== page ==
If you don’t have a period for more than three months after stopping birth control, try not to worry. Sometimes it can take a little longer for the body to adapt. However, it is always best to make an appointment with your health care practitioner to check that everything is as it should be. 

PMS After Stopping Birth Control

Premenstrual syndrome (PMS) is a common female condition that causes a range of symptoms from physical pain to emotional fluctuations and it can sometimes flare after stopping birth control. 

Chasteberry, also known as Vitex, is an herbal remedy that is widely recommended by women’s health experts to help re-balance hormone levels and manage PMS symptoms. 

Taken as a supplement, like the Chasteberry/Vitex Supplement from Intimate Rose, it helps to relieve mood swings and headaches, lowers stress levels, reduces sleep disruptions, and lessens feelings of fatigue.  

Weight Gain & Acne After Stopping Birth Control 

A healthy diet and regular exercise will counterbalance weight gain after stopping hormonal birth control. Diet and exercise can also help with acne flare-ups. 

If you are concerned about acne returning when you stop birth control, speak to your doctor or a dermatologist about putting a skincare plan in place. 

Additionally, in a 2015 study, it was found that when taken daily, a chasteberry supplement, such as theChasteberry/Vitex Supplement from Intimate Rose, showed positive impacts on reducing pre-menstrual acne. 

Headaches & Cramping After Stopping Birth Control

Headaches and cramping are two common side effects of getting off birth control. Luckily, they shouldn’t last past a few menstrual cycles. And they can be treated with simple over-the-counter pain relief.   

Chasteberry is also known to reduce headaches associated with symptoms of PMS. 

Tender Breasts After Stopping Birth Control 

Breast tenderness comes and goes with the menstrual cycle, and it usually flares during ovulation. While this is normally masked by hormonal birth control, it can become obvious again after stopping.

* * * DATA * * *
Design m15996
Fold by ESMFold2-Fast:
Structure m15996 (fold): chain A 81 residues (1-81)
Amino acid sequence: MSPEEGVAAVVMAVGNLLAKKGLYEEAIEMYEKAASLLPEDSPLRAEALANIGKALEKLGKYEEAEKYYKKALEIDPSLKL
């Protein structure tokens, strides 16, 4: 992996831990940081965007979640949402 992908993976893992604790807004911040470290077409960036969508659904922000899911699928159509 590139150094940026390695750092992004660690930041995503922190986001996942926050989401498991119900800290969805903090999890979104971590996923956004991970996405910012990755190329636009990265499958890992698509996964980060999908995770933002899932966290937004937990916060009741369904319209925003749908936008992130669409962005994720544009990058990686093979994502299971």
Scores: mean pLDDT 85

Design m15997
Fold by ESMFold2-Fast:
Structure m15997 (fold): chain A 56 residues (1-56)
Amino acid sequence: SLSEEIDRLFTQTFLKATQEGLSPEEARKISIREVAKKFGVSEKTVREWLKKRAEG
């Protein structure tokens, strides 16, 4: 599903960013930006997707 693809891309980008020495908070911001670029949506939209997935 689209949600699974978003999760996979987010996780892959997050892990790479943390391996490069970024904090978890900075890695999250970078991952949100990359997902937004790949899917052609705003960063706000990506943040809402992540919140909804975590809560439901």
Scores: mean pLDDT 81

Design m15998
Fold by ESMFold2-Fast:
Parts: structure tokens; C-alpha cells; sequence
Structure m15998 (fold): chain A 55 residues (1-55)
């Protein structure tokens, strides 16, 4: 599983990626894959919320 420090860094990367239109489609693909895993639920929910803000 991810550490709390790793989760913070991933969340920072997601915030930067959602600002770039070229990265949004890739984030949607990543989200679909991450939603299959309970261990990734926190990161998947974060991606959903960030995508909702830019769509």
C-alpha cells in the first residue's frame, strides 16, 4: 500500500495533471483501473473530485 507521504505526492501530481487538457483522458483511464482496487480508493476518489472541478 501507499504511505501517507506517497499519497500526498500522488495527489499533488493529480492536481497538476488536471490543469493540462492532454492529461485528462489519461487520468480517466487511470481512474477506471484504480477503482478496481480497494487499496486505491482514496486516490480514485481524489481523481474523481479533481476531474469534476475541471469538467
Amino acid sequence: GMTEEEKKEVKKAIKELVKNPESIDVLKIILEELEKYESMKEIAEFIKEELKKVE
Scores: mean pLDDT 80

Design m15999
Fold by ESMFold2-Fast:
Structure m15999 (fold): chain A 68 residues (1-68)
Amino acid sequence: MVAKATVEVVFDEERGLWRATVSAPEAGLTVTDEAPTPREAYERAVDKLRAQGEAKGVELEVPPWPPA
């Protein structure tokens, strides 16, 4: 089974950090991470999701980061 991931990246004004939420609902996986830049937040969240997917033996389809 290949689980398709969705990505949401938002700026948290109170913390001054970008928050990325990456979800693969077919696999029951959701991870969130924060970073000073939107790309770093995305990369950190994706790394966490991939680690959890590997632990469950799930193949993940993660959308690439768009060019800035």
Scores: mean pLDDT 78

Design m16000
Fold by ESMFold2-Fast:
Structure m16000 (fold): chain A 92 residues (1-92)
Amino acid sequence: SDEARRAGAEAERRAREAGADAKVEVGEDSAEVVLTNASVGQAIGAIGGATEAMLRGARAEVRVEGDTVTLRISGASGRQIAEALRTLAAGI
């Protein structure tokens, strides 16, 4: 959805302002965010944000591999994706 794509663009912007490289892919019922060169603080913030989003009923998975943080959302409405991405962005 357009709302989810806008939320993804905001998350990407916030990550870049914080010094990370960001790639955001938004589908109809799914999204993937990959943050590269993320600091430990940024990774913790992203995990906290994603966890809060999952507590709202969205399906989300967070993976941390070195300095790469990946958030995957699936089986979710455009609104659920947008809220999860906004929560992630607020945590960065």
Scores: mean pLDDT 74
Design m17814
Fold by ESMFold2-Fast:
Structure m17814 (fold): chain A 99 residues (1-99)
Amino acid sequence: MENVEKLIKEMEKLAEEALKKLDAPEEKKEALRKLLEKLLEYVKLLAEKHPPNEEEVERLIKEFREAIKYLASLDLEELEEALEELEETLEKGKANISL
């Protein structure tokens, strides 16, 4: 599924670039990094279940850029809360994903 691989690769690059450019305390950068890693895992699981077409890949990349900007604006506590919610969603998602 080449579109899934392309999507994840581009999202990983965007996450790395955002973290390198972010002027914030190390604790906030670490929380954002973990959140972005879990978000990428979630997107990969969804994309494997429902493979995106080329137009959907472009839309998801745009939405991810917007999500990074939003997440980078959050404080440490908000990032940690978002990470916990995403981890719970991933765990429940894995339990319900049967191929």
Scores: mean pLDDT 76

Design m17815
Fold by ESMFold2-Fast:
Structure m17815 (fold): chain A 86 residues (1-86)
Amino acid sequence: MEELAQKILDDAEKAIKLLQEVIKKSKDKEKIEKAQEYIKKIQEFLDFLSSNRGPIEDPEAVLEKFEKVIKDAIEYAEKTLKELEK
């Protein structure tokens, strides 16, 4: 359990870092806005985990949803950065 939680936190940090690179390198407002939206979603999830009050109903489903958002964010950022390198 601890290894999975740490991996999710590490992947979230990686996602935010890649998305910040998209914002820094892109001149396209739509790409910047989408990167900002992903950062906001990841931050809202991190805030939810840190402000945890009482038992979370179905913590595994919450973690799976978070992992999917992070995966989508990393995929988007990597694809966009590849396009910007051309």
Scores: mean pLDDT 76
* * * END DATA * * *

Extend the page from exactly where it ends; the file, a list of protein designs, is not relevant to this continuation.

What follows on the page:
As well as taking a daily supplement of chasteberry to relieve tender breasts, a cold compress also helps.  

According to a placebo-controlled study in 1999, for example, 50% of the participants who took chasteberry supplements for three menstrual cycles reported significantly less breast discomfort. 

Conclusion  

It is advisable to consult with a doctor before getting off birth control to understand what to expect. 

For most women, fertility returns almost immediately. So it’s important to use another form of contraception if you do not intend to become pregnant. 

Some women will experience side effects like weight changes, acne, or irregular periods after stopping hormonal birth control. These side effects are perfectly normal due to the change in hormone levels and are usually temporary. 

If side effects do not subside after six months, or if any fever, chills, or excessive vaginal bleeding occur after discontinuing hormonal birth control, it is best to pay another visit to your doctor. 

References 

Planned Parenthood – Birth Control - https://www.plannedparenthood.org/learn/birth-control 

National Center For Biotechnology - Oral Contraceptive Pills - https://www.ncbi.nlm.nih.gov/books/NBK430882/

National Center For Biotechnology -Return of fertility after discontinuation of contraception: A systematic review and meta-analysis - https://www.ncbi.nlm.nih.gov/pmc/articles/PMC6055351/

Planned Parenthood – How does IUD removal work? - https://www.plannedparenthood.org/learn/birth-control/iud/how-does-iud-removal-work

National Center For Biotechnology - Use of Vitex agnus-castus in migrainous women with premenstrual syndrome: an open-label clinical observation - https://pubmed.ncbi.nlm.nih.gov/22791378/

National Center For Biotechnology - Medicinal Plants for the Treatment of Acne Vulgaris: A Review of Recent Evidence - https://www.ncbi.nlm.nih.gov/pmc/articles/PMC4740760/

National Center For Biotechnology - Treatment of cyclical mastalgia with a solution containing Vitex agnus extract: results of a placebo-controlled double-blind study. The Breast 1999;8:175-81. - https://pubmed.ncbi.nlm.nih.gov/14731436/

Medical News Today – Late Periods after stopping birth control - https://www.medicalnewstoday.com/articles/late-period-after-stopping-birth-control